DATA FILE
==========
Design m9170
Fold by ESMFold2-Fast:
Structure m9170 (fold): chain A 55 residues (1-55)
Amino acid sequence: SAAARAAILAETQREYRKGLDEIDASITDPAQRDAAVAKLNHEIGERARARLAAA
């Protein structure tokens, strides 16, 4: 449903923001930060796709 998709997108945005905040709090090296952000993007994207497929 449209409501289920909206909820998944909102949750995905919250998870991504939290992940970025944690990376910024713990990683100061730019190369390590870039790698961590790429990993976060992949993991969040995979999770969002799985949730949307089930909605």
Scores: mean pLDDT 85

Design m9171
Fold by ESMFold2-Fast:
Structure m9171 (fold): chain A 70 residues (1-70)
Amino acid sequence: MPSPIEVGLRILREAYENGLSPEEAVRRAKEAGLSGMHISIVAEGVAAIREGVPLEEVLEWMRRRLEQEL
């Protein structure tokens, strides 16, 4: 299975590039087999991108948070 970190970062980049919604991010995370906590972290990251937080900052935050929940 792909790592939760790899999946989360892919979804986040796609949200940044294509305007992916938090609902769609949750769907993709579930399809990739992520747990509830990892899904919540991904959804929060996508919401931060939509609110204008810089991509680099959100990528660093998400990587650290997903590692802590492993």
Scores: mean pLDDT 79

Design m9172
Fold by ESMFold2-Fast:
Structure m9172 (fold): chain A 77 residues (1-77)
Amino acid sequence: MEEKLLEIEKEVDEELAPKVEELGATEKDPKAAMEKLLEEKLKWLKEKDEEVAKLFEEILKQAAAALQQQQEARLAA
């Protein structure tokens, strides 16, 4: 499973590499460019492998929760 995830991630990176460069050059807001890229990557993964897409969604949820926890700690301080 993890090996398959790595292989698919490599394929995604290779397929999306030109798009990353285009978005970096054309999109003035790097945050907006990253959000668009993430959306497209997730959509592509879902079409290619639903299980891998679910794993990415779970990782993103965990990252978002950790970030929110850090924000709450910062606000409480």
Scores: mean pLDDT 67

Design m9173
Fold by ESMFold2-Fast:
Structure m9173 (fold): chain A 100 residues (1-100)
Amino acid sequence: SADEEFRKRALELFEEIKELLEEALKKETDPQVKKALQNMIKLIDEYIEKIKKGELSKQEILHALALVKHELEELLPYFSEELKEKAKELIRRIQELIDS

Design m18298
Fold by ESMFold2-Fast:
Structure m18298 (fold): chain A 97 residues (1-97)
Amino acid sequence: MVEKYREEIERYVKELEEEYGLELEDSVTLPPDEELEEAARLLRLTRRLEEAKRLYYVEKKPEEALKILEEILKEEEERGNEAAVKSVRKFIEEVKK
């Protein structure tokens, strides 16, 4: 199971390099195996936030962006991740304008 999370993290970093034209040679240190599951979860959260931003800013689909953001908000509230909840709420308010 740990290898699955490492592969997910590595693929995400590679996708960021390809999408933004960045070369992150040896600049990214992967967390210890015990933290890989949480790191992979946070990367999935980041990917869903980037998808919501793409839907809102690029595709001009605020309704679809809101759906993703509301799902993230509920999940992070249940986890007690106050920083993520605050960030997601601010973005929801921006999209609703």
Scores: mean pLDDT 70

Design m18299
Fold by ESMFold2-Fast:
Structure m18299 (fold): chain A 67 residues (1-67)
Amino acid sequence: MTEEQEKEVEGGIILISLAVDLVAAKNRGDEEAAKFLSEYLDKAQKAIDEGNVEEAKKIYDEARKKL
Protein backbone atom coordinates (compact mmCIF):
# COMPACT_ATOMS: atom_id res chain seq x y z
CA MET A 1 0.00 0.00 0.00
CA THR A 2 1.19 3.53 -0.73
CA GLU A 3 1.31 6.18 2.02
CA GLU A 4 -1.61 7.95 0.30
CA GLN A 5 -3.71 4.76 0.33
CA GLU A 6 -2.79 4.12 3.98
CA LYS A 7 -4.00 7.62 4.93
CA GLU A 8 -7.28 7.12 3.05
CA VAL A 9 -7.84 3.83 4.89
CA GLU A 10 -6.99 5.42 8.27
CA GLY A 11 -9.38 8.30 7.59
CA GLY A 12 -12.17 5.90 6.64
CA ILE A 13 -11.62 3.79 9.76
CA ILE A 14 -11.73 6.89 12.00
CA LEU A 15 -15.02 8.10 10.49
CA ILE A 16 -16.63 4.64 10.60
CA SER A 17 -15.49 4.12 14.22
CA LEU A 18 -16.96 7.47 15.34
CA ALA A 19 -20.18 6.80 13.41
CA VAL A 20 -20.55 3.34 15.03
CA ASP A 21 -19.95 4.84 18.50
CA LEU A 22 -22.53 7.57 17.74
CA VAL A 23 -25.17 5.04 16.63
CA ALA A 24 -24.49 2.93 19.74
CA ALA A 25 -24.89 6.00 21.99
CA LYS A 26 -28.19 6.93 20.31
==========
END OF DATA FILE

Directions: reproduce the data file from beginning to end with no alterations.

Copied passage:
Design m9170
Fold by ESMFold2-Fast:
Structure m9170 (fold): chain A 55 residues (1-55)
Amino acid sequence: SAAARAAILAETQREYRKGLDEIDASITDPAQRDAAVAKLNHEIGERARARLAAA
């Protein structure tokens, strides 16, 4: 449903923001930060796709 998709997108945005905040709090090296952000993007994207497929 449209409501289920909206909820998944909102949750995905919250998870991504939290992940970025944690990376910024713990990683100061730019190369390590870039790698961590790429990993976060992949993991969040995979999770969002799985949730949307089930909605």
Scores: mean pLDDT 85

Design m9171
Fold by ESMFold2-Fast:
Structure m9171 (fold): chain A 70 residues (1-70)
Amino acid sequence: MPSPIEVGLRILREAYENGLSPEEAVRRAKEAGLSGMHISIVAEGVAAIREGVPLEEVLEWMRRRLEQEL
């Protein structure tokens, strides 16, 4: 299975590039087999991108948070 970190970062980049919604991010995370906590972290990251937080900052935050929940 792909790592939760790899999946989360892919979804986040796609949200940044294509305007992916938090609902769609949750769907993709579930399809990739992520747990509830990892899904919540991904959804929060996508919401931060939509609110204008810089991509680099959100990528660093998400990587650290997903590692802590492993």
Scores: mean pLDDT 79

Design m9172
Fold by ESMFold2-Fast:
Structure m9172 (fold): chain A 77 residues (1-77)
Amino acid sequence: MEEKLLEIEKEVDEELAPKVEELGATEKDPKAAMEKLLEEKLKWLKEKDEEVAKLFEEILKQAAAALQQQQEARLAA
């Protein structure tokens, strides 16, 4: 499973590499460019492998929760 995830991630990176460069050059807001890229990557993964897409969604949820926890700690301080 993890090996398959790595292989698919490599394929995604290779397929999306030109798009990353285009978005970096054309999109003035790097945050907006990253959000668009993430959306497209997730959509592509879902079409290619639903299980891998679910794993990415779970990782993103965990990252978002950790970030929110850090924000709450910062606000409480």
Scores: mean pLDDT 67

Design m9173
Fold by ESMFold2-Fast:
Structure m9173 (fold): chain A 100 residues (1-100)
Amino acid sequence: SADEEFRKRALELFEEIKELLEEALKKETDPQVKKALQNMIKLIDEYIEKIKKGELSKQEILHALALVKHELEELLPYFSEELKEKAKELIRRIQELIDS

Design m18298
Fold by ESMFold2-Fast:
Structure m18298 (fold): chain A 97 residues (1-97)
Amino acid sequence: MVEKYREEIERYVKELEEEYGLELEDSVTLPPDEELEEAARLLRLTRRLEEAKRLYYVEKKPEEALKILEEILKEEEERGNEAAVKSVRKFIEEVKK
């Protein structure tokens, strides 16, 4: 199971390099195996936030962006991740304008 999370993290970093034209040679240190599951979860959260931003800013689909953001908000509230909840709420308010 740990290898699955490492592969997910590595693929995400590679996708960021390809999408933004960045070369992150040896600049990214992967967390210890015990933290890989949480790191992979946070990367999935980041990917869903980037998808919501793409839907809102690029595709001009605020309704679809809101759906993703509301799902993230509920999940992070249940986890007690106050920083993520605050960030997601601010973005929801921006999209609703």
Scores: mean pLDDT 70

Design m18299
Fold by ESMFold2-Fast:
Structure m18299 (fold): chain A 67 residues (1-67)
Amino acid sequence: MTEEQEKEVEGGIILISLAVDLVAAKNRGDEEAAKFLSEYLDKAQKAIDEGNVEEAKKIYDEARKKL
Protein backbone atom coordinates (compact mmCIF):
# COMPACT_ATOMS: atom_id res chain seq x y z
CA MET A 1 0.00 0.00 0.00
CA THR A 2 1.19 3.53 -0.73
CA GLU A 3 1.31 6.18 2.02
CA GLU A 4 -1.61 7.95 0.30
CA GLN A 5 -3.71 4.76 0.33
CA GLU A 6 -2.79 4.12 3.98
CA LYS A 7 -4.00 7.62 4.93
CA GLU A 8 -7.28 7.12 3.05
CA VAL A 9 -7.84 3.83 4.89
CA GLU A 10 -6.99 5.42 8.27
CA GLY A 11 -9.38 8.30 7.59
CA GLY A 12 -12.17 5.90 6.64
CA ILE A 13 -11.62 3.79 9.76
CA ILE A 14 -11.73 6.89 12.00
CA LEU A 15 -15.02 8.10 10.49
CA ILE A 16 -16.63 4.64 10.60
CA SER A 17 -15.49 4.12 14.22
CA LEU A 18 -16.96 7.47 15.34
CA ALA A 19 -20.18 6.80 13.41
CA VAL A 20 -20.55 3.34 15.03
CA ASP A 21 -19.95 4.84 18.50
CA LEU A 22 -22.53 7.57 17.74
CA VAL A 23 -25.17 5.04 16.63
CA ALA A 24 -24.49 2.93 19.74
CA ALA A 25 -24.89 6.00 21.99
CA LYS A 26 -28.19 6.93 20.31